Last but not least, the power level of the lists end-game package seems unmatched: Spikeridged Steed and Sunkeeper Tarim can create immense swing turns, while Lynessa Sunsorrow serves as a backup policy against silence effects and can be a card draw machine.

All in all, you can win a decent amount of games on your way to your win condition already. Don’t be afraid to take bad trades in the early game, because eventually you will have enough tools to deal with most threats after you have reached late-game. And most importantly, don’t forget that you will need five free board slots to pull off your deadly Horsemen combo!

OTK Paladin Tech Cards and Replacements/Substitutions

Spellbreaker: While this card fills the definition of a “tech choice inclusion”, the current meta forces most mid-range and control decks to include at least one Spellbreaker. Due to the recent nerfs, most games tend to be a lot slower, so including even two copies won’t be punished as hard, and highly improves the matchups of Exodia Paladin, Control Warlock.

Uther of the Ebon Blade, Auctionmaster Beardo and Burgly Bully: Both of these cards are absolutely mandatory for the archetype, so you cannot replace these cards at all unfortunately.

Lynessa Sunsorrow: As already said, this card provides insane flexibility in the later stages of the game with even more card draw and survivability. Decent replacements could be beefy high-impact late-game minions like Tirion Fordring or Sunwalker.

Dirty Rat: Especially when looking at the Warlock matchups, this one can be a dead card if not pulled out by Call to Arms. It can however definitely be a life-save against aggro decks even when played from the hand, so replacements should provide similar survivability and the ability to get pulled out by Call to Arms, for example Plated Beetle or Doomsayer (the latter destroys the purpose of Call to Arms in some scenarios).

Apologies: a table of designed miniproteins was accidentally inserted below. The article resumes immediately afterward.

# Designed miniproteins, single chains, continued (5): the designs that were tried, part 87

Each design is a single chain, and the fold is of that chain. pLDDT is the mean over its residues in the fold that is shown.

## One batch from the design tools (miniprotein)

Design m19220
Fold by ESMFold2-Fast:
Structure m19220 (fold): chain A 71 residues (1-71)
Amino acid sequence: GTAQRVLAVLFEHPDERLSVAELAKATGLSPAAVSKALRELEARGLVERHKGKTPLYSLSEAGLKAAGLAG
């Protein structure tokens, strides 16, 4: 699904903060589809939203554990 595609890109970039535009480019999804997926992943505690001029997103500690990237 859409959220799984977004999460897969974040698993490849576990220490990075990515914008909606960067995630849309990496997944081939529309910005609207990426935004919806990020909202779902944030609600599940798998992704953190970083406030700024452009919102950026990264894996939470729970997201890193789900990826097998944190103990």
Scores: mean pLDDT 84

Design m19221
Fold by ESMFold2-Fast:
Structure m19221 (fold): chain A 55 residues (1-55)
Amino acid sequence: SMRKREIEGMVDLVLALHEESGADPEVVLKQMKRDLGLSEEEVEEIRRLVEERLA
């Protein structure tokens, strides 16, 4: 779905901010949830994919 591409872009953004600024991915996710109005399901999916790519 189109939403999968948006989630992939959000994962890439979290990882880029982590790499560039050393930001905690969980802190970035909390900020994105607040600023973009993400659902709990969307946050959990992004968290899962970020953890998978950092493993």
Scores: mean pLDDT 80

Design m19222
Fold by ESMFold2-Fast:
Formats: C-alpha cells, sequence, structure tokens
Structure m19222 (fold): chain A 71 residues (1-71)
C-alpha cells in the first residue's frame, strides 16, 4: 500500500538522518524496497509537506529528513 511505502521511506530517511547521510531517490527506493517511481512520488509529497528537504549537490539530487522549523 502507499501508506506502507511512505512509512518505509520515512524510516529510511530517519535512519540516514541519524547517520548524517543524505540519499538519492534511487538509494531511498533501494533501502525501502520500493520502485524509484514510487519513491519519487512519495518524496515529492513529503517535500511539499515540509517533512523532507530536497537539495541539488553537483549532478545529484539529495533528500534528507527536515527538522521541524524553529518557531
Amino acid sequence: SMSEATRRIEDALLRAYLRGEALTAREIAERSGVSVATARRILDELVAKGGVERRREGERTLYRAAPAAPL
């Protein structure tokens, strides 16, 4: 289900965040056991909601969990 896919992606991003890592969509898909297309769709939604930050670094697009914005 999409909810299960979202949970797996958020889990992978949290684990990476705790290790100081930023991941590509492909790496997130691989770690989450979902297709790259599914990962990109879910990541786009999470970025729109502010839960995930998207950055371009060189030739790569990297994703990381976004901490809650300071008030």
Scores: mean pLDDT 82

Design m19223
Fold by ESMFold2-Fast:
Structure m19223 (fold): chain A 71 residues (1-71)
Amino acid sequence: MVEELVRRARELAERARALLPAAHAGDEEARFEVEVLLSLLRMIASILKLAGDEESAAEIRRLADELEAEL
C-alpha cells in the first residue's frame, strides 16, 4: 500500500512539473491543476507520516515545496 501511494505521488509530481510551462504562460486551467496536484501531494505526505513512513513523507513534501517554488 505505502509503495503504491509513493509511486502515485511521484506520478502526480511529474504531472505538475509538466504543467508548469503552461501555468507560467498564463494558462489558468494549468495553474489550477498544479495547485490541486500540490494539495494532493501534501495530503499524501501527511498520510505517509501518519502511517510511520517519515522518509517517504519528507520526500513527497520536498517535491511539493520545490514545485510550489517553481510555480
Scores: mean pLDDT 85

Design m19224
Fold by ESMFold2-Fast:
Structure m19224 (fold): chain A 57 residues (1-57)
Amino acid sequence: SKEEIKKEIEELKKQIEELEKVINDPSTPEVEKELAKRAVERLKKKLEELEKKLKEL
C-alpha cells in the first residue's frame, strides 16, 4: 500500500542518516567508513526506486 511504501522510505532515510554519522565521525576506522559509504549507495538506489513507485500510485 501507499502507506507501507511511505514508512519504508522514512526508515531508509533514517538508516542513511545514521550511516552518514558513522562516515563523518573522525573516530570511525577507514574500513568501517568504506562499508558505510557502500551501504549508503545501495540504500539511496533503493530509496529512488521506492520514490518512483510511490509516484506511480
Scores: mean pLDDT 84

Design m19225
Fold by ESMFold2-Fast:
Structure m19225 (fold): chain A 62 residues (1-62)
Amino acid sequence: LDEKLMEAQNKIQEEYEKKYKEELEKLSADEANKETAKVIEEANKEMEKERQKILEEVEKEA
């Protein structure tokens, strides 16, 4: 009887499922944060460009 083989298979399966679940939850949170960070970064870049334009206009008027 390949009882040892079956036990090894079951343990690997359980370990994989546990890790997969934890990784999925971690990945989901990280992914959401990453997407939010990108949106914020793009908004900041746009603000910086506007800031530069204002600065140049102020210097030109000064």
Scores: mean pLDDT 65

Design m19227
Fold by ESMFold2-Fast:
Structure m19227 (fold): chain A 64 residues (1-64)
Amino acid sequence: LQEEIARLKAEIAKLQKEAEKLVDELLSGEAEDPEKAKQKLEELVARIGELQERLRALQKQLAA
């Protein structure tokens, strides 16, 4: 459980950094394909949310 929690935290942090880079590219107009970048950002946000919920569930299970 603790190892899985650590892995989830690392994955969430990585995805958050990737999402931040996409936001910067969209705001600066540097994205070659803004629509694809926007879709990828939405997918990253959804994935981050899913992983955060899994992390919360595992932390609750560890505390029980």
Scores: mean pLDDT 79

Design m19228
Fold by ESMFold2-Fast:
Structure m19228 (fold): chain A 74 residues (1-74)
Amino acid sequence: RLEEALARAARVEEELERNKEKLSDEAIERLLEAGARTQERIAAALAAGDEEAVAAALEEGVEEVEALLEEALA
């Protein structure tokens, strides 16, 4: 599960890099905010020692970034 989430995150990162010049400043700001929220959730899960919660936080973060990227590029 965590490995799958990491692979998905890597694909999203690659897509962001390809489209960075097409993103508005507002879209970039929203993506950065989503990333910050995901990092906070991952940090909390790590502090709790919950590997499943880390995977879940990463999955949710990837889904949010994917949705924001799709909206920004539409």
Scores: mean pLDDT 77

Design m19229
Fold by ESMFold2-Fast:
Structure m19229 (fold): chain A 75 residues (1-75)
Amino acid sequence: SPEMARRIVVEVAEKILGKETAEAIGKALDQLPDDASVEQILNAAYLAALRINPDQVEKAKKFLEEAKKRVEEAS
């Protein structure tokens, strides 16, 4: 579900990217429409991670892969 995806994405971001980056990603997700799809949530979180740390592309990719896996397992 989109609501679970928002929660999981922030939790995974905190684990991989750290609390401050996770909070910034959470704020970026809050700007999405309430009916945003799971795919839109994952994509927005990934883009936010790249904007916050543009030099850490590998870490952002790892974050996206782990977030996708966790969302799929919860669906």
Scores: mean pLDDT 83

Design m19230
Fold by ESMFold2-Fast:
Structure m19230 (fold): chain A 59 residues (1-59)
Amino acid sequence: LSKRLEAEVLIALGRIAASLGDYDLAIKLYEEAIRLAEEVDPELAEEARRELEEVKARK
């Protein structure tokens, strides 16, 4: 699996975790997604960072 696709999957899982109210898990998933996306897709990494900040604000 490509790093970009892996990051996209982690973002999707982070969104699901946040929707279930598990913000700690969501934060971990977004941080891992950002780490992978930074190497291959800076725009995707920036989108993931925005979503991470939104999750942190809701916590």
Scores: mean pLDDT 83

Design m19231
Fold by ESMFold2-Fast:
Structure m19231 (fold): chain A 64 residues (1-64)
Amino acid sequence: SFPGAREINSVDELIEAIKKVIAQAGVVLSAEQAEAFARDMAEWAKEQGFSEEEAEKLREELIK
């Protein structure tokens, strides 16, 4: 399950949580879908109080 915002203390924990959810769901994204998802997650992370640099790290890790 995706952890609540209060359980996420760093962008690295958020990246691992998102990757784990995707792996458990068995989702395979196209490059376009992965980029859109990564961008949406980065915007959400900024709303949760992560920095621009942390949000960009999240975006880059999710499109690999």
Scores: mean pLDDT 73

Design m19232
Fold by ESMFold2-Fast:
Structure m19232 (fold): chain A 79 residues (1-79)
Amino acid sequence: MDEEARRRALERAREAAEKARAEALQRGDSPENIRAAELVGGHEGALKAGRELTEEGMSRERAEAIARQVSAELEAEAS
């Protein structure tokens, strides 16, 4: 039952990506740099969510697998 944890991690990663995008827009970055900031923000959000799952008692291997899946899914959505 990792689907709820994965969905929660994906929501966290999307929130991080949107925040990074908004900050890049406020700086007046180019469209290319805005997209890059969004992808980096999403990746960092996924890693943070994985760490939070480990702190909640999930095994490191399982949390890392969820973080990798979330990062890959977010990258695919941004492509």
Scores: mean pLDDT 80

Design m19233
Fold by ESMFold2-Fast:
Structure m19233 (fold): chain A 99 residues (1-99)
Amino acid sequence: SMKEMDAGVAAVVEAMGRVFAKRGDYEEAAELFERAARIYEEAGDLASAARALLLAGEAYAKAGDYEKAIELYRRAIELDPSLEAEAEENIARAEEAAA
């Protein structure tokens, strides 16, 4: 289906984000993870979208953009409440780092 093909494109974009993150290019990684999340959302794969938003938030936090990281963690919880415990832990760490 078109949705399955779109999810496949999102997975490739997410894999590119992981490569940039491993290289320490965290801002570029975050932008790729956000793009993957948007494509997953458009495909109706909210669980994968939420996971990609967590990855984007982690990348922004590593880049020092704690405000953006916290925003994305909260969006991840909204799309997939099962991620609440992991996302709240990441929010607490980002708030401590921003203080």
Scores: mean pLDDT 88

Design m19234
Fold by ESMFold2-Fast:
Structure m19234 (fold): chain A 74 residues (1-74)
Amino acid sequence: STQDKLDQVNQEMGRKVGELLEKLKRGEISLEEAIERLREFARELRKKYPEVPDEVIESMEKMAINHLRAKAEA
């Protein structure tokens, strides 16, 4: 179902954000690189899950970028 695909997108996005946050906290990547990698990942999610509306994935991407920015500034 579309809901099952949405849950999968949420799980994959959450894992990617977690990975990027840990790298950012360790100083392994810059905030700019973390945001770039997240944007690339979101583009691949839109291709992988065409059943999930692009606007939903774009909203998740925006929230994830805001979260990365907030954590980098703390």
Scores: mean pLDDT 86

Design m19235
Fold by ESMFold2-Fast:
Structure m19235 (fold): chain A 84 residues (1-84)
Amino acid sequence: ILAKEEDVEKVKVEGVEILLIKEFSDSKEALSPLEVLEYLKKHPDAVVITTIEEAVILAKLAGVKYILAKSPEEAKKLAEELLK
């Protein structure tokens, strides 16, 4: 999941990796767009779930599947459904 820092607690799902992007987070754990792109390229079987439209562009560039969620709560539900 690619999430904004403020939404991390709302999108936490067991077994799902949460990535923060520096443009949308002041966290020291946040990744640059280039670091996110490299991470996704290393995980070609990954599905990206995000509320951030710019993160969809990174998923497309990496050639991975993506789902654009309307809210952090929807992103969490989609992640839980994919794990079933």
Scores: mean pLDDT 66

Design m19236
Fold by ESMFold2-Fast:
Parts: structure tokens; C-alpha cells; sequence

N'Zoth, The Corruptor: A lot of Exodia Paladin variations run our very special Old God. However, this list in particular would need substantial replacements, for example Tirion Fordring and Plated Beetle, two cards that don’t bring you closer to your win condition. Nevertheless,  streamers like Silvername made a more defensive list including N’Zoth.

Exodia Paladin Matchup and Mulligan Guides

vs Aggro/Murloc/Dude Paladin: Slightly Favored

In theory, all Control Paladin variations should outshine their aggro class counters. Cheap and multiple board clears like Consecration and Wild Pyromancer combos can keep several board refills at bay; the x factor in this aggro matchup trio was, is and always will be Murloc Paladin due to its insane nut draw potential.

Mulligan: Cards to keep are Righteous Protector, Wild Pyromancer, Consecration, Hydrologist and Rallying Blade.

vs Spell Hunter: Highly Favored

Spell Hunter may be the new star on the stage of Kobolds and Catacombs, but it certainly will not match well against Exodia Paladin on the long run. Spell Hunter gives us enough time to draw our combo, and it doesn’t do enough damage until then. If there’s nothing to control but Loot Hoarders and Dirty Rats that will never draw out minions, Spel Hunter pretty much only plays Animal Companions that get cleared over and over again.

Mulligan: Cards to keep are Righteous Protector, Call to Arms and Burgly Bully (guess who’s getting a lot of coins?!).

vs Spiteful Priest: Highly Unfavorable

One thing Control Paladin archetypes have never been good against are multiple early high-impact threats. Yes, you can trade perfectly well if you have Equality and a minion on board early, but what then? Spiteful Priest can highroll you out of the game before it even started. The amount of pressure can only be matched by great board clear combo draws, and sadly we won’t have those every game.

Mulligan: Cards to keep are Righteous Protector, Hydrologist and Call to Arms.

vs Big Spell Mage/Big Priest: Slightly Favored

Similar to Spell Hunter, both of these “Big” archetypes are all about that control meta. Exodia Paladin however can’t be controlled if it isn’t pressured early. Another x factor in that equation will always be everybody’s favorite Barnes.

Mulligan: Cards to keep are Call to Arms, Loot Hoarder, Righteous Protector and Hydrologist.

vs Secret Mage: Even